Competence by Design Advice from Dr. Basi
Program Director | University of Alberta
What major lessons have you learned as you’ve implemented CBD?
Start as early as possible to implement EPAs into the residency curriculum so faculty and residents have time to get used to these new methods of providing feedback. And encourage staff to provide feedback on what residents are doing well – not just identify deficiencies.
What has been your biggest challenge in implementing CBD?
Helping faculty understand how to use the O-SCORE Entrustability Scale. Some struggled, for example, with the concept of awarding a 5, which means “I did not have to be there.” For faculty to say that they literally did not have to be in the room is too much of a departure from tradition for some. Therefore, we had to focus on issues of interpretation.
What advice would you provide to other program directors?
I found it useful to invest substantial time in resident development. I spent one full day focusing just on the residents and empowering them to use CBD – for example, how to choose which EPA to tackle in a given clinical situation. In many cases, staff will turn to residents to clarify how the process is supposed to work, so residents need to be prepared.
How are you tackling the big issue of engaging your faculty and managing their expectations?
At first, I enlisted help from faculty who had a particular interest in resident education. I also talked about CBD at resident meetings and rounds. I continue to bring updates to monthly department meeting and constantly report on our progress. I always come to meetings with a listening ear and recognize the contributions of faculty to keep them engaged.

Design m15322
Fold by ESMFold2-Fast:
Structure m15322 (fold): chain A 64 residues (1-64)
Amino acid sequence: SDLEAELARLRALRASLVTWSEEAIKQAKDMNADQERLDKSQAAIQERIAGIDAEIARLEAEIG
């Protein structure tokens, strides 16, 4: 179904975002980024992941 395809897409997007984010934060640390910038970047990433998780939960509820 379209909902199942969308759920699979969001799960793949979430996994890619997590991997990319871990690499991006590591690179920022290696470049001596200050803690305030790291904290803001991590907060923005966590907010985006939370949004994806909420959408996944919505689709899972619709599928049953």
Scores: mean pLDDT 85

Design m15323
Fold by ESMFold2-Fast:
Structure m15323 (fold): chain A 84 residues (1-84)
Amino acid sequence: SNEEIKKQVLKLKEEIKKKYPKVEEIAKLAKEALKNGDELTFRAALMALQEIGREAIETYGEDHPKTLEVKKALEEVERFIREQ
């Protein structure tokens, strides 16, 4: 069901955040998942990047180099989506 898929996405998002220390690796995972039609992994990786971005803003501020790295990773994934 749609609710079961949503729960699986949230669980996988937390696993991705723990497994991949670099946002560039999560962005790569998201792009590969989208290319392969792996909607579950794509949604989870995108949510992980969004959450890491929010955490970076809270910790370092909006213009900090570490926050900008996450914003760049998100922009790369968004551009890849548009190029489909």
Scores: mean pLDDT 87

How do you see your program benefiting from CBD?
CBD is creating more dialogue between faculty and residents, so it helps to build collegiality between learners and staff. I also feel that we’re going to be graduating residents who are more confident in their competencies. In the end, they will be more successful adult learners who take responsibility for their learning and are self-reflective. This will translate into better physicians.
What tools are you using to engage faculty?
I scheduled one-on-one sessions with every faculty member where I gave them a brief CBD primer with salient points about the transition, how it would affect them and how it could be rewarding to them. This helped make sure that faculty felt heard. I also reward highly engaged faculty with a resident for their clinic during the resident’s transition to practice.
What are you particularly proud of about your CBD journey?
I’m proud of our national specialty committee and how well we worked together to develop our new curriculum and EPAs. This early work gave me invaluable knowledge to bring back to my program, which made it easier for me to engage our faculty in the process of implementing CBD.